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Trendsetter. Mentor. Leader.
All those qualities can be used to describe Loyola High basketball coach Jamal Adams, who is ready for a new challenge, agreeing to end his coaching career to become the principal at Pasadena La Salle High. The school made the announcement Monday.
Adams was one of the first Black basketball coaches at a private school when he was hired 16 years ago at Loyola, and he has been a vocal advocate for helping others be represented. Now he will take on the task of being the top administrator at another private school after serving in a variety of roles at Loyola.
“It was an opportunity to be principal,” he said. “It’s a community that I’ve fallen in love with, and it’s a chance to push myself and grow. I want to continue to represent leadership that is atypical. Being an African American school leader is something I take seriously. I’m excited about joining them and using everything I learned.”
A graduate of Loyola, Adams was director of faculty and director of equity and inclusion at his alma mater. He also taught classes in economics and African American study. He graduated from Columbia and has a master's degree from Loyola Marymount. He once was a stock broker before entering education.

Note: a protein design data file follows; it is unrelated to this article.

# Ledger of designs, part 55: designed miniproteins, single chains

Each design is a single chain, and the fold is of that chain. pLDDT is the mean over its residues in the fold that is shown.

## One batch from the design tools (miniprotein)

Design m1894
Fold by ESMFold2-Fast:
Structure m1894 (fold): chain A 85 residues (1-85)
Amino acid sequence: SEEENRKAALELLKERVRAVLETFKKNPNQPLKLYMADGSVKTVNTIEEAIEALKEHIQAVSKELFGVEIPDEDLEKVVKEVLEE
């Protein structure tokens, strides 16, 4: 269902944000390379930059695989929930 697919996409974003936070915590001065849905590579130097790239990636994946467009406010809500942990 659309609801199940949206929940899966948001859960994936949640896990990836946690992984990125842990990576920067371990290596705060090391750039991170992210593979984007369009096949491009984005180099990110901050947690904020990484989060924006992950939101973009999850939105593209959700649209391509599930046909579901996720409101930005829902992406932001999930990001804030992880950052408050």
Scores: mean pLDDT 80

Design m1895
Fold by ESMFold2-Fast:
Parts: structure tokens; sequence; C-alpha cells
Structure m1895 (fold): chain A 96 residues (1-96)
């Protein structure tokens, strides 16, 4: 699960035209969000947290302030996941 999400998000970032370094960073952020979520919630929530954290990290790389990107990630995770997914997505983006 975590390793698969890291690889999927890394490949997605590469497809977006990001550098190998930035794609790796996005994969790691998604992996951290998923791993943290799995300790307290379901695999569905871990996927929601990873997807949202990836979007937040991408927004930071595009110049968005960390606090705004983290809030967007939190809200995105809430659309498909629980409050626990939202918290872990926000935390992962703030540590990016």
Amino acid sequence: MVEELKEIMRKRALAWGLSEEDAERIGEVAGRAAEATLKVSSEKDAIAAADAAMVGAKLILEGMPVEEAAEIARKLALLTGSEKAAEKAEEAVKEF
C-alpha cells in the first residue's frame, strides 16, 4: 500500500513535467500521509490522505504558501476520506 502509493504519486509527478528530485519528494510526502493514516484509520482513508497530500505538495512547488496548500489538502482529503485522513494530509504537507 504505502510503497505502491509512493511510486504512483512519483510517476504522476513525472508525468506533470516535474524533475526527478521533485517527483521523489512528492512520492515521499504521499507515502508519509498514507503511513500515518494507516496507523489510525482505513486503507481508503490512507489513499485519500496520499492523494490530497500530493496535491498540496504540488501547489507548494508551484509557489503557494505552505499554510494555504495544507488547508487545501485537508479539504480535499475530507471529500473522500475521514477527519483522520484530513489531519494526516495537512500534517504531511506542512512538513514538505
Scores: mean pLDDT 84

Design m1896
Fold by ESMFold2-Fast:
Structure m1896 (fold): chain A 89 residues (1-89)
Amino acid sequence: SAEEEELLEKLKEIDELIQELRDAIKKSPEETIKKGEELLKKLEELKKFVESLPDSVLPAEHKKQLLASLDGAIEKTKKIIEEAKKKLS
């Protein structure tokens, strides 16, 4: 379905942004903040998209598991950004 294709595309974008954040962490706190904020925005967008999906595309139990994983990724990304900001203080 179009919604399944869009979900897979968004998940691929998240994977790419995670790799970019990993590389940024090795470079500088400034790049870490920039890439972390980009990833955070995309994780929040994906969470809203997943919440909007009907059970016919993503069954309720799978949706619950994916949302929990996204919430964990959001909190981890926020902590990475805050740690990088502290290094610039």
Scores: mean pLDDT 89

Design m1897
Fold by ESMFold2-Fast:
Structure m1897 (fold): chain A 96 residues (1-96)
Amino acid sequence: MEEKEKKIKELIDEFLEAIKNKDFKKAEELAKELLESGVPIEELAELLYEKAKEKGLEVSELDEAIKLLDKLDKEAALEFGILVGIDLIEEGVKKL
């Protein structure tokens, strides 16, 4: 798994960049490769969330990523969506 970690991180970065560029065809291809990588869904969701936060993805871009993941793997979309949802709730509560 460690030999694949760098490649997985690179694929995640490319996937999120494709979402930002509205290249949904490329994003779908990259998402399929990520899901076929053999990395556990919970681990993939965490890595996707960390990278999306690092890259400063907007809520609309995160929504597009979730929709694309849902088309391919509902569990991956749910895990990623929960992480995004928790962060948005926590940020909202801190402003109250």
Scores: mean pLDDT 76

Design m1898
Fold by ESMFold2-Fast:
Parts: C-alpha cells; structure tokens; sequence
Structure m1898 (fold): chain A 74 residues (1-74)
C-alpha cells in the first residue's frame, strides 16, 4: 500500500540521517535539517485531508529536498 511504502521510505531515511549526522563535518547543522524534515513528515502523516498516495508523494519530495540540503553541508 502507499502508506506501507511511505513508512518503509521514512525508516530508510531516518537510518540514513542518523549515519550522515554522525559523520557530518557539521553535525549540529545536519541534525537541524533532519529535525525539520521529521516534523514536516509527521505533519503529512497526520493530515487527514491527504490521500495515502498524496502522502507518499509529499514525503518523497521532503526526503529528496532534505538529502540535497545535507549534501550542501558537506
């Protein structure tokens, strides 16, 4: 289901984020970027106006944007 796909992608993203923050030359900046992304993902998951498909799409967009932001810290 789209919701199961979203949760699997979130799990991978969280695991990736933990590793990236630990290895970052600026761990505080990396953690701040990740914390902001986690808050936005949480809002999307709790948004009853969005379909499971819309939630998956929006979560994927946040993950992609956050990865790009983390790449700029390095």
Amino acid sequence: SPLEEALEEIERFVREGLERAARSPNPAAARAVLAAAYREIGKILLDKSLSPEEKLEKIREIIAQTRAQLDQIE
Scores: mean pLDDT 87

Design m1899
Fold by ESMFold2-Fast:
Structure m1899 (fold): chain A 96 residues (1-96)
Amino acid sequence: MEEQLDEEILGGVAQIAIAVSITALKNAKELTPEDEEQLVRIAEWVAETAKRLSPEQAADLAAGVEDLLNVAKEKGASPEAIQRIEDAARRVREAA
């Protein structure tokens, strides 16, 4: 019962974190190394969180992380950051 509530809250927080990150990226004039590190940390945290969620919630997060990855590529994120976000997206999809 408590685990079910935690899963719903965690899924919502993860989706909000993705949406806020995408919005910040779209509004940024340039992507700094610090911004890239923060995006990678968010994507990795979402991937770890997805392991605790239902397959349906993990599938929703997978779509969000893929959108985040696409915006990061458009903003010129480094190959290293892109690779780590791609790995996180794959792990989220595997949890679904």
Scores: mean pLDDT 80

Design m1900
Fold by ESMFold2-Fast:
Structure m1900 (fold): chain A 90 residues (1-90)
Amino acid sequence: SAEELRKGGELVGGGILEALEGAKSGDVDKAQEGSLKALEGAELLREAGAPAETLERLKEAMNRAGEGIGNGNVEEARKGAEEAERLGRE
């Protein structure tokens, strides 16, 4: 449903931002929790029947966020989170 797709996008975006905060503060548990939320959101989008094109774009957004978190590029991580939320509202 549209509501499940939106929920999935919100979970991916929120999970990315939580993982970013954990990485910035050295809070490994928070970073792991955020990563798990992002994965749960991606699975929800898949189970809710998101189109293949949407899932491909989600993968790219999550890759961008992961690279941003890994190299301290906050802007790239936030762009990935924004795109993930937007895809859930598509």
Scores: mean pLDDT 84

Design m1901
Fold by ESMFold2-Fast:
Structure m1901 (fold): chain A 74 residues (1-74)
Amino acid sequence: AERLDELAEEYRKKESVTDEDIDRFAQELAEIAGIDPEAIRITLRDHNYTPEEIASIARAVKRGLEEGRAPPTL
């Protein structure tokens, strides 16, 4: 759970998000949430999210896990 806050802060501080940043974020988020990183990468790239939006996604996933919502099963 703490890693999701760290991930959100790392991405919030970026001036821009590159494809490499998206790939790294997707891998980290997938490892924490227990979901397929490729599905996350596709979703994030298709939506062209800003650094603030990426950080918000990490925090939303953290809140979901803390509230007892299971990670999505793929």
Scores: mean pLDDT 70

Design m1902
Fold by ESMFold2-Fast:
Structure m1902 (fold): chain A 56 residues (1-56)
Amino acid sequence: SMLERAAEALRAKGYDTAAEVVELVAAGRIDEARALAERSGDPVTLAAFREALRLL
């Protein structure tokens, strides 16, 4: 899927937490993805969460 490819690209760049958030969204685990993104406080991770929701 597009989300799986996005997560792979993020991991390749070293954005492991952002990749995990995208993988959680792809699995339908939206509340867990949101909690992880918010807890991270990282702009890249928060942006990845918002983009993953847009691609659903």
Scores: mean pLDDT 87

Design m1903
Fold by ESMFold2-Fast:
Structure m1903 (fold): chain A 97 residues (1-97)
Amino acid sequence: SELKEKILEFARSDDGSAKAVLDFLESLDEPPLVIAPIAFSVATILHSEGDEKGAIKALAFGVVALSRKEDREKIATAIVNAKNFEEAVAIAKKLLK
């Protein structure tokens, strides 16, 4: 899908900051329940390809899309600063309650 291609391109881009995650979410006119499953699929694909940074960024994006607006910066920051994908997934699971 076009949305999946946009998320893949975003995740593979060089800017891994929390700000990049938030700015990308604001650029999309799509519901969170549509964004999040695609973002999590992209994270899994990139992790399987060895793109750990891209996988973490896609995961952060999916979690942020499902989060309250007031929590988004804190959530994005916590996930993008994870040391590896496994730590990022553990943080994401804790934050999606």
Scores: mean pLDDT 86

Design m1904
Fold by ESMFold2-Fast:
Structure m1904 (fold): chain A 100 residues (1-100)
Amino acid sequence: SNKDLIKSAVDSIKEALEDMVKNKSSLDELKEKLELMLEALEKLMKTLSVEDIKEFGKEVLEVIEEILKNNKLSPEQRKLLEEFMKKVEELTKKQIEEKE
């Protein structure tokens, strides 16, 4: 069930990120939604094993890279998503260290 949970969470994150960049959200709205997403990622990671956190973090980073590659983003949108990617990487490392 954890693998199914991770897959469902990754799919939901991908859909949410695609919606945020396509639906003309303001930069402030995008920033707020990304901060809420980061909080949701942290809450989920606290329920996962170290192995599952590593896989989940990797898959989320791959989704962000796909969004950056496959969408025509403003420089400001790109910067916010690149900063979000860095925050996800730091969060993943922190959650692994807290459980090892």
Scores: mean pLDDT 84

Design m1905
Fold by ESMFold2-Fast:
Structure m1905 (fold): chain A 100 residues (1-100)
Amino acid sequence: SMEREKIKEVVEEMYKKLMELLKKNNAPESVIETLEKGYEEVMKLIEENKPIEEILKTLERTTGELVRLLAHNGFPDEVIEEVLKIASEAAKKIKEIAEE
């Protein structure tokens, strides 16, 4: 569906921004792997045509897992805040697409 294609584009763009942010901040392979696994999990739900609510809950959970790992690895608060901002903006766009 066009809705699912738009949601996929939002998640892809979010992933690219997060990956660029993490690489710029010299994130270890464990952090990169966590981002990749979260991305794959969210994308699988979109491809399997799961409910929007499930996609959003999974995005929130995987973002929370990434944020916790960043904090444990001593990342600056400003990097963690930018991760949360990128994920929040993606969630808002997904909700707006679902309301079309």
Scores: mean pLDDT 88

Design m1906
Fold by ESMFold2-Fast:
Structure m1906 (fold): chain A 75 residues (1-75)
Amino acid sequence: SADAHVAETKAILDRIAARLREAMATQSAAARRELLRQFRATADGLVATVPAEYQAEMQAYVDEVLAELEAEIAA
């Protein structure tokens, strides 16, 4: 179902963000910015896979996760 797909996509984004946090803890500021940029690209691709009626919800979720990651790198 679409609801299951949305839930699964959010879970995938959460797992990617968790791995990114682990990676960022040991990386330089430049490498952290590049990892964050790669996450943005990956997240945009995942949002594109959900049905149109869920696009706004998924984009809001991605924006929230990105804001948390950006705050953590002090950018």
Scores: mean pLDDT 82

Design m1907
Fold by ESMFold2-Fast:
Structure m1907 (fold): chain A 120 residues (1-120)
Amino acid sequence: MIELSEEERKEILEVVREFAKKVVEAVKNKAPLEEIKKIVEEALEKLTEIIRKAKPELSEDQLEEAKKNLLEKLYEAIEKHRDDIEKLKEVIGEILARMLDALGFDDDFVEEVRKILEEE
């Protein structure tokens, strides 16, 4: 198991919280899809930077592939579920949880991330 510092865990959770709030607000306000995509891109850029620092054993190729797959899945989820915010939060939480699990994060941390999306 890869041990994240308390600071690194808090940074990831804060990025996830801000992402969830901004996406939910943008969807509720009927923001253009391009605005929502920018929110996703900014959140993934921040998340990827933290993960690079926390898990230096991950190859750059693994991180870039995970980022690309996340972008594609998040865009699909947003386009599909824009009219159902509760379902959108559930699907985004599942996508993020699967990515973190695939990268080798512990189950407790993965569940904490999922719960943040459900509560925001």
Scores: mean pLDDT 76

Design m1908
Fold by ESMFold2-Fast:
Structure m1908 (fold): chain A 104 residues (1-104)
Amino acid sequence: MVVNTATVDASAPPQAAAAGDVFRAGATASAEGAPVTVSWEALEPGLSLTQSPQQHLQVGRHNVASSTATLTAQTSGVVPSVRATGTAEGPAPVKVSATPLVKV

"La Salle is getting someone with integrity, values and passion for education," Loyola volleyball coach Michael Boehle said. "He's going to be irreplaceable."
Adams, 48, is taking a leap of faith because at Loyola he probably had a job for life. He believes the job at La Salle will involve building strong relationships so when difficult moments happen, they will be the foundation to move forward.
He hopes his hiring as a principal can be “an inspiration” for those who have similar dreams to make a difference in the Black community. At Loyola, he’s been a student, parent, teacher, coach and administrator, preparing him for the challenges ahead.
“I’ve been in a really unique place to see the ins and outs of the school,” he said.
Adams will continue to serve as Loyola’s basketball coach through the end of this season before taking over as principal at La Salle.
“It’s a vibrant community and wants to grow,” he said of La Salle.
Since the death of George Floyd in Minneapolis police custody, Adams has served on the executive board of the Black Coaches association along with Jason Hart (USC), Pooh Jeter (pro player), Travis DeCuire (Montana), Damon Stoudamire (Pacific), Tina Thompson (Virginia), Reggie Morris Jr. (Fairfax), Lou Richie (Bishop O'Dowd) and Noelle Quinn (Torrance Bishop Montgomery).
This story originally appeared in Los Angeles Times.